] and biologic plausibility. Maternal pre-pregnancy BMI was calculated using the mothers’ height and pre-pregnancy weight as listed in medical records and classified as underweight (<18.5 kg/m2), normal weight (18.5–24.9), overweight (25.0–29.9), or obese (≥30.0) [

      Morisaki N, Piedvache A, Morokuma S, Nakahara K, Ogawa M, Kato K, et al. Gestational weight gain growth charts adapted to Japanese pregnancies using a Bayesian approach in a longitudinal study: The Japan Environment and Children's Study. J Epidemiol 2021. doi: 10.2188/jea. JE20210049. Online ahead of print.

      ]. Gestational weight gain (GWG) was categorized as below, within, or above reference values based on the guidelines of the Institute of Medicine (now known as the National Academy of Medicine) of 2009 [

      Rasmussen K, Yaktine AL, editors. Institute of Medicine and National Research Council Committee to reexamine IOM pregnancy weight guidelines. Weight gain during pregnancy: reexamining the guidelines. Washington DC: National Academic Press; 2009.

      ]. Demographic covariates included maternal age, parental smoking habit, maternal alcohol consumption, socioeconomic status, and parental history of neurodevelopmental disorders, epilepsy, and mental disease. Socioeconomic status was evaluated by the highest level of education completed by the mother (junior high school, high school, vocational school/junior college, or university/graduate school) and annual household income (<4,000,000, 4,000,000–7,999,999, or ≥8,000,000 JPY) [
      • Mitsuda N.
      • N Awn J.P.
      • Eitoku M.
      • Maeda N.
      • Fujieda M.
      • Suganuma N.
      • et al.
      Association between maternal active smoking during pregnancy and placental weight: The Japan environment and Children's study.
      ]. Obstetric and medical variables, such as parity, means of pregnancy, maternal infection and other complications, and medications during pregnancy, were also evaluated. The history of epilepsy, neurodevelopmental disorders, or mental disease of parents was obtained from the questionnaire at registration in early pregnancy (yes or no). Neurodevelopmental disorders included attention deficit and hyperactivity disorder, learning disability, autism, Asperger’s syndrome, and pervasive developmental disorder. Mental disease included depression, schizophrenia, and anxiety disorder.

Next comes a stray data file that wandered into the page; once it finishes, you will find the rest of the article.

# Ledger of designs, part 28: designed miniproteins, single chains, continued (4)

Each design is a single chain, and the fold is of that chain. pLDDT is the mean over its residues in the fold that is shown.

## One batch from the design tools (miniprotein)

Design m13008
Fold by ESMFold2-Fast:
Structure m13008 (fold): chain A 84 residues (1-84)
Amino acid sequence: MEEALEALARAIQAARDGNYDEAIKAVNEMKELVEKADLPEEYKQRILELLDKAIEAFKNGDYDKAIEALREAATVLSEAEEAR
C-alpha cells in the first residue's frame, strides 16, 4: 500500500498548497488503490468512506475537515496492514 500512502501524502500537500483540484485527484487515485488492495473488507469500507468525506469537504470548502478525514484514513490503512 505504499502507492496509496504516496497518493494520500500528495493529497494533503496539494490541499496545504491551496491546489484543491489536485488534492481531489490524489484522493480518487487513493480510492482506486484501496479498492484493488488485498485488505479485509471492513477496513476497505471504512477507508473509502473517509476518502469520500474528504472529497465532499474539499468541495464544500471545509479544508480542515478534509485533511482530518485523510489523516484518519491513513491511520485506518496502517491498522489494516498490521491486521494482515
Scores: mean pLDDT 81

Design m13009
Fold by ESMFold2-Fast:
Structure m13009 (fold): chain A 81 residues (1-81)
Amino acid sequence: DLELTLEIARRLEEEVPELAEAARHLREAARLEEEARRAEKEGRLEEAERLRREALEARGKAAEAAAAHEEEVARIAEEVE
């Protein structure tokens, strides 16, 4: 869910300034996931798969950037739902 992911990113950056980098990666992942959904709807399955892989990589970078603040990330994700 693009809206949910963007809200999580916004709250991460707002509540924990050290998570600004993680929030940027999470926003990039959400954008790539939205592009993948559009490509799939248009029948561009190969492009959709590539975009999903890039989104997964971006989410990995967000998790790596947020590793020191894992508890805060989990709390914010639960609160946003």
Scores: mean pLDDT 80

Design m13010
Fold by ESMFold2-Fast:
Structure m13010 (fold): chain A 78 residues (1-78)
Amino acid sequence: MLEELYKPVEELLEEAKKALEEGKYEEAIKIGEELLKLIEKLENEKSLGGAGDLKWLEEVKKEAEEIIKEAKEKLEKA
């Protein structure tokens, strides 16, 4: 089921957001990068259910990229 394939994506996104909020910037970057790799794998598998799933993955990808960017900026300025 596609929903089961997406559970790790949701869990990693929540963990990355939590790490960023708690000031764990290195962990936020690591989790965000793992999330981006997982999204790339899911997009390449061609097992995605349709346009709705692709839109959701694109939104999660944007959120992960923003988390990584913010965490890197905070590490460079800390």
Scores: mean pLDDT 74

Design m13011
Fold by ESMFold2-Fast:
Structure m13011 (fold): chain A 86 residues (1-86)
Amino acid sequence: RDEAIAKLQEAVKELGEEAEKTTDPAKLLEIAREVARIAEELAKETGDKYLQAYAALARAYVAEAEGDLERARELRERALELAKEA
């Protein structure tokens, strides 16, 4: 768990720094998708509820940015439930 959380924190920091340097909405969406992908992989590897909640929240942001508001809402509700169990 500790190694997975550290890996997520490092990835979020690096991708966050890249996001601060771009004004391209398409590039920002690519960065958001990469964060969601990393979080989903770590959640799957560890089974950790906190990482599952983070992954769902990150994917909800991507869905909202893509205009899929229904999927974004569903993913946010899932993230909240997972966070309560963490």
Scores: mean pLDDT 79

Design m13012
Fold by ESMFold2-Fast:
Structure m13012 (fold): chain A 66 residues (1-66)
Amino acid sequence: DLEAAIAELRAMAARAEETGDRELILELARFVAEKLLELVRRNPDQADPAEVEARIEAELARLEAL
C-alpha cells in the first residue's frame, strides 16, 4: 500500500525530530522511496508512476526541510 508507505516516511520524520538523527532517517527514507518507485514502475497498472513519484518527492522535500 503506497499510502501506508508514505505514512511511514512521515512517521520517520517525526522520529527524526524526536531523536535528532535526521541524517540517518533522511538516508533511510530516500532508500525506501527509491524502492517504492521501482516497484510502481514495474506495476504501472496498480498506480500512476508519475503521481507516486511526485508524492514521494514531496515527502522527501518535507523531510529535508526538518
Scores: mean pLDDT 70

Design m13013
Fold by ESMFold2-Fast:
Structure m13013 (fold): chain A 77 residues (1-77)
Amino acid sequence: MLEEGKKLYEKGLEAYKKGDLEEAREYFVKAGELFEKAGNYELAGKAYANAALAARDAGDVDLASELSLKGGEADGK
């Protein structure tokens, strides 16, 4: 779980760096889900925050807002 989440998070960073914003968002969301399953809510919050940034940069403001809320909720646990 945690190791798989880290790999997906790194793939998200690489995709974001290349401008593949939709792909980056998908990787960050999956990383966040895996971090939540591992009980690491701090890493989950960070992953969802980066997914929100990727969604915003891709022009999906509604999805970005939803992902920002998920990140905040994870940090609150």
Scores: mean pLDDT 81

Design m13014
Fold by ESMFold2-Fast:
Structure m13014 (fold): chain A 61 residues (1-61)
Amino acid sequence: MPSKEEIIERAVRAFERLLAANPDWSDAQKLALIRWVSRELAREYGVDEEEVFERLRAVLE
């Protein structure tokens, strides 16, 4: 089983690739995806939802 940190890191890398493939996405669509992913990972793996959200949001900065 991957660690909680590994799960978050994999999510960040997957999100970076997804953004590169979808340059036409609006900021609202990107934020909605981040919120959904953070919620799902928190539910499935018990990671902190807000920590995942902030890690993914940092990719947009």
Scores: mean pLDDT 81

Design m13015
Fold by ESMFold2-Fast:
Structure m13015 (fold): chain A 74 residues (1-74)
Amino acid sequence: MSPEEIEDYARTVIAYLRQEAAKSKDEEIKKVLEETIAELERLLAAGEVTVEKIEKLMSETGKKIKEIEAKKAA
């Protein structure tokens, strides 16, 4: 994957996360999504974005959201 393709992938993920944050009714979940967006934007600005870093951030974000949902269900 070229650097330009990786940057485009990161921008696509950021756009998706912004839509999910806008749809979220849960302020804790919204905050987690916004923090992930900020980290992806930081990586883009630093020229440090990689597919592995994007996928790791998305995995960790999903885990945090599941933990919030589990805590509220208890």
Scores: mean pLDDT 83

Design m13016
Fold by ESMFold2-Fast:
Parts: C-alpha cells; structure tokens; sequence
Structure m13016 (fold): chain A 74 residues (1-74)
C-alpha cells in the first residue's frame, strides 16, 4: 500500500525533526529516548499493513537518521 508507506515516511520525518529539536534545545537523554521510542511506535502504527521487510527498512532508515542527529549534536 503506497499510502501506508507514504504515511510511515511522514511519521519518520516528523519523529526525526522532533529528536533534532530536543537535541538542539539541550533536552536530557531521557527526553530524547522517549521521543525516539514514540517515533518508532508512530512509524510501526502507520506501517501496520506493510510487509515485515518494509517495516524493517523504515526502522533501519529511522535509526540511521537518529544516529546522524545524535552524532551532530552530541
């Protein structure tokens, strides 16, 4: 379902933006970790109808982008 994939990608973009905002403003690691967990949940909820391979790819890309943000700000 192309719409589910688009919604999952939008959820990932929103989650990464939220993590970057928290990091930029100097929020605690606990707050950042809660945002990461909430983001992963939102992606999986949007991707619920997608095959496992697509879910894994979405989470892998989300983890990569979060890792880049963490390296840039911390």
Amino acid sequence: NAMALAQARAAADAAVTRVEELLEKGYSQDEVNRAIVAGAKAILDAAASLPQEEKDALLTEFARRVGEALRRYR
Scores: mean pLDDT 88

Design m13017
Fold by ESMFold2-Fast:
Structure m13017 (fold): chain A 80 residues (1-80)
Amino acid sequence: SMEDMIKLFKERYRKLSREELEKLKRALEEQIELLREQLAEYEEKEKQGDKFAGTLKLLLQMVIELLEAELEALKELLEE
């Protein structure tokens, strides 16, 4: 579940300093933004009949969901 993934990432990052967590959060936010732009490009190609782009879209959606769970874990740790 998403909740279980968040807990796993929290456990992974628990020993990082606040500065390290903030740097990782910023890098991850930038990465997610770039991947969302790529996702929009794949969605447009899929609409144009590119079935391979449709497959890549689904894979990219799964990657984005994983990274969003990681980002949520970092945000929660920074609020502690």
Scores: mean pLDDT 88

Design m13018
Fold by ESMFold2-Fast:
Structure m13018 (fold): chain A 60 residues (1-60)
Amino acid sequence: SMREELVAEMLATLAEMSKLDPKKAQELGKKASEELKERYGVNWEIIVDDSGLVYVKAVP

2.5 Statistical analysis

      Distribution normality was confirmed by the Kolmogorov–Smirnov test. Data are expressed as the mean (standard deviation [SD]) or the median (interquartile range [IQR]) depending on whether they are normally distributed or not, respectively. We adopted multiple logistic regression models to investigate developmental disorder at 1 year as the dependent variable in association with maternal TC level in early pregnancy. Infants below and above the cut-off for each domain were judged as “screen positive” and “normal development”, respectively. Maternal TC level was subdivided as low, normal (reference), or high. Possible differences in the scores of each domain among the TC level groups were evaluated by one-way repeated measures of analysis of variance (ANOVA) followed by post hoc (Bonferroni) testing. We adopted logistic regression models to calculate adjusted odds ratios (aORs) and their 95% confidence intervals (CIs) while controlling for covariates, as described above. We excluded participants with missing information on any of the covariates used in the multiple logistic regression analysis. Spearman’s rank correlation coefficient was used to check for multicollinearity of covariates. Hosmer–Lemeshow testing was employed to assess the goodness-of-fit of the models. We also analyzed the subjects with incomplete ASQ-3 questionnaires as well as those without registered fathers to evaluate for possible selection bias. All statistical analyses were performed using SPSS statistical software version 24 (SPSS Inc., Chicago, Illinois). A P value of <0.05 was considered statistically significant.